Hip-hop, rap, freestyle, beats, bass, breaks, MC, laying down tracks, mixmastered, the mic. Summer of ’84, the beginning, Jam On It by Newcleus is playing; I’m outside a breakdance circle watching Marcus in awe. Legs fluttering through the air, propellers of his windmill. I don’t know it fully at the time, but the music is my cross-cultural bridge, a window into my black friends, Taliaferro, Alphonso, Terry, Tracy, Dennis, guys who live defacto segregated in South Arlington, or Hall’s Hill. The songs, the lyrics, aren’t their truth or mine, artistic expression, usually African-American, black mind creation; we interpret, make meaning. I start by memorizing the lyrics of Whodini, people used to say that you had a big mouth and now I understand what they’re talkin’ about. I find the DC stations on the dial, hear the infectious rap through static. Teenage years bring the Beastie Boys, N.W.A, Run-D.M.C., Will Smith; the Alpine in my Pontiac can’t go loud enough. My college roommates get me hooked on Pete Rock & CL Smooth, school me on Harlem, Chicago, lotion for ashy brown skin. They try to give me a fade, but the sides of my head just go cream-colored, no blending. We listen to all the MCs, talk about who rhymes superior, poetry of words, acceleration, intonation. Eric B. & Rakim, Brand Nubian, Tribe, Ice Cube, Redman, Method Man, names like superheroes. I see Tribe and De La in concert, meet Chuck D, his Public Enemy audio history, middle passage, Black Panthers, slavery. 1996, winter, The Smallest Bar in the NYC, me wearing khakis and an oxford, delivering drinks, my hip-hop night, lots of Biggie and Craig Mack. Reese, grew up with LL, comes in from Queens with his boys, freestyling. Years later students stare in disbelief when I recite all of My Philosophy by KRS-One, word for word. Hip-hop grew up with me and I grew up with hip-hop. Much older now, the CDs and cassette tapes are mostly gone. A few months ago I’m the middle-aged guy in the Prius, Fight The Power blasting out to the gentrified streets of San Francisco. A man at a stop sign stares at me, raises his fist into the air, gives me a nod. I feel like a hip-hop hippie, old days gone, Phife Dawg dead, MCA too, once a hip-hop junkie, that will always be true.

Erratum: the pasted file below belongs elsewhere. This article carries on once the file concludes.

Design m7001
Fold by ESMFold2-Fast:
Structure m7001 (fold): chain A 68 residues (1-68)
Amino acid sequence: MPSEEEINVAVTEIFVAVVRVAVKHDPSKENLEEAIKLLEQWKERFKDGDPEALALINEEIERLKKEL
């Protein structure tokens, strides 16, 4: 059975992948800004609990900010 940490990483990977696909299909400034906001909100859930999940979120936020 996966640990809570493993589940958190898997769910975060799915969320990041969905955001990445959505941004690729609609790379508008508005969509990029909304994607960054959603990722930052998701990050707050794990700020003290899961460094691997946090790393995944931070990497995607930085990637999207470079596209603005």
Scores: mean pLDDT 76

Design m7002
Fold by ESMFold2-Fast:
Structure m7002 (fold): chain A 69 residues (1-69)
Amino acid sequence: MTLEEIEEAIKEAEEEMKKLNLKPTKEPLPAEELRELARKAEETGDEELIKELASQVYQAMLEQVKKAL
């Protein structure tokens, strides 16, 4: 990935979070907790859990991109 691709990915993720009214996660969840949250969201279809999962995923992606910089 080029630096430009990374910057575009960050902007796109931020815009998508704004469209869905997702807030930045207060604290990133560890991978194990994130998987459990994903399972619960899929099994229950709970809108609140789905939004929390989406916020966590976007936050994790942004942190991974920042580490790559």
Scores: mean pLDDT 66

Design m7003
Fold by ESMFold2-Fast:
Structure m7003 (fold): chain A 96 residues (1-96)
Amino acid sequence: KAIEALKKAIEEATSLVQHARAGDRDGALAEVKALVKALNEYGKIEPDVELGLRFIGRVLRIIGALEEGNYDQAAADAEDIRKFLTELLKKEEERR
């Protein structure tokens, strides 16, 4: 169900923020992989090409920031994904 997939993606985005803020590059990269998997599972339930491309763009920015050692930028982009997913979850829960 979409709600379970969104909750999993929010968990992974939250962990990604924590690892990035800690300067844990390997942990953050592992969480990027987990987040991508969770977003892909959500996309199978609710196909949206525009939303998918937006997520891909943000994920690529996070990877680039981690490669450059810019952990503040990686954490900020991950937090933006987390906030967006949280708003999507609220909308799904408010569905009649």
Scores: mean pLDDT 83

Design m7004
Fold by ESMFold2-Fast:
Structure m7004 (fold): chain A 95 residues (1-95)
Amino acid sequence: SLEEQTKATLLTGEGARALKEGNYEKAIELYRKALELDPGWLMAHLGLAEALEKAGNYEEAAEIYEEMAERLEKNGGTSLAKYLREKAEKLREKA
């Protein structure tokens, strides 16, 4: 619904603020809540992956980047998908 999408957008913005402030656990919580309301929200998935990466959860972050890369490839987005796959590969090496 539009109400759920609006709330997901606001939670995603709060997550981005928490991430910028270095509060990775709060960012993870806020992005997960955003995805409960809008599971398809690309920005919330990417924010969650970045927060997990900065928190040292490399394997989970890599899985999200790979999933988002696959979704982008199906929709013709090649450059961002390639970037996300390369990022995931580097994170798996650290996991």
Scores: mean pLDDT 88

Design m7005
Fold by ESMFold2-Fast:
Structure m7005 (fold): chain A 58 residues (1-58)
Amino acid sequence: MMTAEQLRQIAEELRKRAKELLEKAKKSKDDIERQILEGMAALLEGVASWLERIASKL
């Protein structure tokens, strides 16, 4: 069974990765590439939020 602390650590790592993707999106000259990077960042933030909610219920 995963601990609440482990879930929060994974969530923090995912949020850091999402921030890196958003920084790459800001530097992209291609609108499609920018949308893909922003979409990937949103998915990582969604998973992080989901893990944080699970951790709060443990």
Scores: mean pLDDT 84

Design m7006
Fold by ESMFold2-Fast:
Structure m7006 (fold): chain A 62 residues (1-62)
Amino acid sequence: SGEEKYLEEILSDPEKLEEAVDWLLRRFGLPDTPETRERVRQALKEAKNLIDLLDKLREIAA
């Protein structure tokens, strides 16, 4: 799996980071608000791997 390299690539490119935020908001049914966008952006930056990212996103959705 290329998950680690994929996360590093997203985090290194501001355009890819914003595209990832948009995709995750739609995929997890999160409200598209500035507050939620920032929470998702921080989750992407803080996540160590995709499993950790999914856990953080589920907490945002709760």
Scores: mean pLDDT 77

Being Jewish

Most days I forget that I would have been put in the gas chamber. I rarely tell anyone that by Jewish Law, I am, Jewish. I never understood how the Jewish part got to lay claim to me because of my Mother, even though I always celebrated Christmas with my Dad’s family. Daniel Polk, first name Jewish, surname Christian. At Temple Rodef Shalom I studied Moses and the Maccabees. I labored there reading an ancient alphabet with my moussed hair slicked back, trying to look like Don Johnson. Hardly anyone from my intermediate school went to that temple. I never fit, in a word, I thought they (the Jews), were nerds. I liked sports not the computer games they spoke about, their noses and animated faces more Ashkenazi than mine. Yet, I still learned about the holocaust through the patience of Ziva Zysman who survived the camps, endured my halting Hebrew, trained me to stand and be a bar mitzvahed man. Like many quasi-half breed reform Jews, I quit going to synagogue after my bar mitzvah, took the money and ran. But later I journeyed to Israel, researched my mother’s family from Iasi, Romania, Odessa, the pogroms, went through periods of reading Isaac Bashevis Singer, kept flirting with my inner Jew. Judaism would sometimes flirt back, they are married now, have kids with real Jewish men, but we dated then and I pretended that religion could mean something. Years later I took my biggest leap, taught at a Jewish high school where some of the students wore kippahs everyday. My first year a parent asks me, What’s it like for you to be surrounded by all these Jews? After that, I put my Bar Mitzvah certificate up over my desk like it was some kind of diploma, like I actually belonged, like somehow the paper made me kosher. I didn’t, I’m not. Last December I met a rabbi in Mexico while on vacation, told him my lifelong dilemma. Daniel, you either feel it within or you don’t. I don’t feel it, but I don’t not feel it either, caught between tradition, definition, and my own philosophic spirit. Most days I just breathe, some days I pray. To what God? I’m not sure.